I was reading Kraitchik's Mathematical Recreations book (a very nice little Dover volume) and ran across this interesting puzzle on pg. 140:
21, A man stakes 1/m of his fortune on each play of a game whose probability is 1/2. He tries again and again, each time staking 1/m of what he possesses. After 2n games, he has won n times, and lost n times. What is his result?
This isn't very hard to analyze. Let's assume that n = 1 to try to gain some insight. There are two ways we can win 1 and lose 1 game, but both end up with the same: (1 - 1/m2) times our original stake. A tiny bit more head scratching will (maybe) convince you that for n > 1, we get (1 - (1/m2))n. It should be obvious that both of these expressions are strictly less than one (you lose money, and the greater the fraction you bet, the quicker you lose). The only way to preserve your bankroll in this game, well, not to play it.
There are a couple of interesting things about this puzzle which Kraitchik didn't elaborate, but which I think are interesting.
Somewhat trivially, the payout of this puzzle actually doesn't depend at all on what the probability of winning an individual round is. When the game is fair (probability of winning is 1/2) then the most likely outcome (although as n gets larger, an increasingly unlikely one) is for an even number of wins and losses to occur. In some sense, this outcome is the "fairest" of all fair outcomes: it is the most likely to occur, you bet a constant fraction of your total bankroll, and you get the fairest outcome: the same number of heads and tails. And yet, you lose money every time. Guaranteed.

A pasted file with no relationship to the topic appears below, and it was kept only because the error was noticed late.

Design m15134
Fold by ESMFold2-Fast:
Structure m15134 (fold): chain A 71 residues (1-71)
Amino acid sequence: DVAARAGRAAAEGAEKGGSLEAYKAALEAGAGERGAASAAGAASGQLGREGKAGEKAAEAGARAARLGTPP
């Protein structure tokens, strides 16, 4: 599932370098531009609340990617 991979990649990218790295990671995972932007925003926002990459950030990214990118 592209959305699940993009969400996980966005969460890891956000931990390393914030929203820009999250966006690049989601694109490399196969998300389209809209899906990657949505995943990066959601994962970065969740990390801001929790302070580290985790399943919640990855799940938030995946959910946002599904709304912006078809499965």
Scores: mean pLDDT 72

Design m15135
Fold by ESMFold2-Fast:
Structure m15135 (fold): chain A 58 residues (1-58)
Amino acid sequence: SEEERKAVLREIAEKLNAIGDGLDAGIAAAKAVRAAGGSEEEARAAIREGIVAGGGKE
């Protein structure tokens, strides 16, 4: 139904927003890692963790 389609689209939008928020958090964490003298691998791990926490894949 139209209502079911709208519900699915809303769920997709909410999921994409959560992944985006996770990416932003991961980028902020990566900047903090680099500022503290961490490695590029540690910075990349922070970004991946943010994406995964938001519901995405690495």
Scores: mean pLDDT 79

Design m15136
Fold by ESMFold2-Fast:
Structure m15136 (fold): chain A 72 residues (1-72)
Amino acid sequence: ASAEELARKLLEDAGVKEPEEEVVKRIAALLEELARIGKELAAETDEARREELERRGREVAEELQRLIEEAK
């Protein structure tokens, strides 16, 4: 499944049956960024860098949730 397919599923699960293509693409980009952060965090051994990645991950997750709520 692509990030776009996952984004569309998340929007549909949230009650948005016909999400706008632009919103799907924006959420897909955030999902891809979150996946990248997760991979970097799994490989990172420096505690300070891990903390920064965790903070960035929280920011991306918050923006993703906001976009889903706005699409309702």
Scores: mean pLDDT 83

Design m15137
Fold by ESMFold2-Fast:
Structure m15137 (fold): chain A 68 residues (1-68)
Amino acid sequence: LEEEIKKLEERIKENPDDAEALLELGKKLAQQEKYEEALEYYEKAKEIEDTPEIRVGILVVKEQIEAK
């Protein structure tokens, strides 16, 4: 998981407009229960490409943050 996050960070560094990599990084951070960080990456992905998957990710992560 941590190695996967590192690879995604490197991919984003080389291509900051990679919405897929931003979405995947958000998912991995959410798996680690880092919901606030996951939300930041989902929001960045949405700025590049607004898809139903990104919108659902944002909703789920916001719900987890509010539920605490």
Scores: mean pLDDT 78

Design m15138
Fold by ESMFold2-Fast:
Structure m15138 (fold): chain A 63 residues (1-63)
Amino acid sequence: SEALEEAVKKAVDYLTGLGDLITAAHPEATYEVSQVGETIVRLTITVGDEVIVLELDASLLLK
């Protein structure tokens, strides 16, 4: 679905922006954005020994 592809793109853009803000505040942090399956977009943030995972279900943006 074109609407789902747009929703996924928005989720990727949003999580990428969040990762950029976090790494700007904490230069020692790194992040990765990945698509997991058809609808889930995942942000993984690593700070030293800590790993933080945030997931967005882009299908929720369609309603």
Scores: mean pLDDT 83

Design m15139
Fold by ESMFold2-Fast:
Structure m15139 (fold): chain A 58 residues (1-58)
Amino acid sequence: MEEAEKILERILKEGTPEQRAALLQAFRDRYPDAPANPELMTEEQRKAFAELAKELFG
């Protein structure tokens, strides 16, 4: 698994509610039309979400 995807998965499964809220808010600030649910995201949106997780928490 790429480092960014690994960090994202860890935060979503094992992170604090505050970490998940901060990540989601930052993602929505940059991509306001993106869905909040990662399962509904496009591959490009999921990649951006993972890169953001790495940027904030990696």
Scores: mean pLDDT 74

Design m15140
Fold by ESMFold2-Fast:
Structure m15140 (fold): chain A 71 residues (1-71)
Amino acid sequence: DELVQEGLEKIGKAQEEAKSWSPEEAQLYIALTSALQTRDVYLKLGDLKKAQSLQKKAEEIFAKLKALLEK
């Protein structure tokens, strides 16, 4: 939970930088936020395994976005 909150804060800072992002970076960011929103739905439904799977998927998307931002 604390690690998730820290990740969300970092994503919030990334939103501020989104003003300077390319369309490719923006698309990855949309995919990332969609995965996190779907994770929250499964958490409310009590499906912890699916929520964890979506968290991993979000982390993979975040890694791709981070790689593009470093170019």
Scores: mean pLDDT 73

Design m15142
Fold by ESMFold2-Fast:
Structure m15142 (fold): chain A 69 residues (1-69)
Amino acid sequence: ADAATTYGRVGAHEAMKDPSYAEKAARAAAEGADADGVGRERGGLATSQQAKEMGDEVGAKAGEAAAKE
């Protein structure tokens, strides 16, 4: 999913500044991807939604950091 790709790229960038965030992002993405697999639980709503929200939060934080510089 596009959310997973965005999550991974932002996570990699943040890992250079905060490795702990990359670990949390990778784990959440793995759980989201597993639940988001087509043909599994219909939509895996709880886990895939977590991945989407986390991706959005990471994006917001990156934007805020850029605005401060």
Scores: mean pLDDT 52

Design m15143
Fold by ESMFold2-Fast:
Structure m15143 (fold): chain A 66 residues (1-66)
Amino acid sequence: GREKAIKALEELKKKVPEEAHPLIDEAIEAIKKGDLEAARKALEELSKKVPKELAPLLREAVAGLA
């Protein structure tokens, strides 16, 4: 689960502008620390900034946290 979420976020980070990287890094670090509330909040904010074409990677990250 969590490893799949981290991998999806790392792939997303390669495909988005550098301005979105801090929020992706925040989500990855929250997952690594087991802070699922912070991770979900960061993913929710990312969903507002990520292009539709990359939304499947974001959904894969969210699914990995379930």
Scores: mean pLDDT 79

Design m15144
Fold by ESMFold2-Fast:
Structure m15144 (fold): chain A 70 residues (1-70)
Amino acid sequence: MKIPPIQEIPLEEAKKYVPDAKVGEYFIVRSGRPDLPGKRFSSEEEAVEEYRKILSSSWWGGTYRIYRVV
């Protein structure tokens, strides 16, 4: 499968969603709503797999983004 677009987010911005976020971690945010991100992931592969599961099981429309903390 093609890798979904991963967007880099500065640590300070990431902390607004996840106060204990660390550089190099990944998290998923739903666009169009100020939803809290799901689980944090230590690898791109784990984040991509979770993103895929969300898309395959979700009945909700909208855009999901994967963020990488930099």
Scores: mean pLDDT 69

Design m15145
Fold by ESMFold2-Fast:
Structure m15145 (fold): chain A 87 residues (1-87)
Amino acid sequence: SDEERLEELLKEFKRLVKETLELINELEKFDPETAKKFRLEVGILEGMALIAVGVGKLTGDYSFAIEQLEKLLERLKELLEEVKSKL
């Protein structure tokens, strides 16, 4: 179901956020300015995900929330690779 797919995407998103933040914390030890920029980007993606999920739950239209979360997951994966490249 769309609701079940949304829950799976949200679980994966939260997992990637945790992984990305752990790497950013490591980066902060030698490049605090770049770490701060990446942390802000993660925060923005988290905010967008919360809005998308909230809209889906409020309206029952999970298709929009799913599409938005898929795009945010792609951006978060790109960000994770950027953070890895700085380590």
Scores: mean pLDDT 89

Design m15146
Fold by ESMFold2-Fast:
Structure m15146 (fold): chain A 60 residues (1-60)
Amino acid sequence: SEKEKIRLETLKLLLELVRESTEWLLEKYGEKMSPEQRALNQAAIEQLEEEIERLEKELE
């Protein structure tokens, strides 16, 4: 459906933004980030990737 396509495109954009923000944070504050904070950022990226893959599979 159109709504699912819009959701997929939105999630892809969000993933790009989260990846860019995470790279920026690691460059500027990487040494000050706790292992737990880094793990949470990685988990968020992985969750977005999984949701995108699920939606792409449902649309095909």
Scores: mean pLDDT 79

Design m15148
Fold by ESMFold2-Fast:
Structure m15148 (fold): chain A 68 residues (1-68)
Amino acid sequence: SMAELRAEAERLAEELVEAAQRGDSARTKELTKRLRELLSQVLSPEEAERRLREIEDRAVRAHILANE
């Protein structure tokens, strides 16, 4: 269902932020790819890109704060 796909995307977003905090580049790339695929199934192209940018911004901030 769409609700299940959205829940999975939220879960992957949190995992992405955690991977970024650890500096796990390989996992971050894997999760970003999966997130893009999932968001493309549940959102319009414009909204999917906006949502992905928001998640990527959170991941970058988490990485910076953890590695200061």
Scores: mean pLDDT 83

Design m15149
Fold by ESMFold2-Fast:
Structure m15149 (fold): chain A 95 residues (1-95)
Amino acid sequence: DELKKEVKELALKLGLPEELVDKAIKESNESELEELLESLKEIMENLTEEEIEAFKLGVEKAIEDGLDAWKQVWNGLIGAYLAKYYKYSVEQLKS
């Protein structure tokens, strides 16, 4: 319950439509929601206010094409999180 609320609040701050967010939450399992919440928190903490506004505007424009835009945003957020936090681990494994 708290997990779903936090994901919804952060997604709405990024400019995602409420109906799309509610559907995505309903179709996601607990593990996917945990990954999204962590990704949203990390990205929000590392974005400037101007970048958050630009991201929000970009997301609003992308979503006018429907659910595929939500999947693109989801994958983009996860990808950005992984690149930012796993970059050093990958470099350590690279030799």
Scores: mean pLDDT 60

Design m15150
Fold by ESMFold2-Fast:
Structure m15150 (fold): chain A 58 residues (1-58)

This obviously has something to do with fractional betting. If, instead of betting a fraction of your total bankroll, you instead bet a constant amount (say 1 unit), then after n losses and n wins, you'd be even.
Ponder it some more.
Addendum: Think of this another way. Consider this game to be a drunkards walk, where you win and lose with equal probability. Each step, you wager a fraction of your bankroll, and if you win, collect your money and take a step to the right. If you lose, you pay out and take a step to the left. You can read more about random walks here on Wikipedia. In these one dimensional random walks, you will cross the start point (and in fact any other point as well) an infinite number of times as you repeatedly play the game. And yet, every time you pass your start point, you will have won and lost the same number of games, and you will always be behind. Similarly, no matter what you bankroll, if you bet a constant amount, you will always be ruined playing a fair game if you play long enough.
These results are counter to many of the intuitions that we have about gambling, where one might imagine that in a "fair" game, if we have a large enough stake we might think we could play forever.
Anyway, just fun to think about.
Kelly most famously studied fractional betting systems. They hold a few surprises.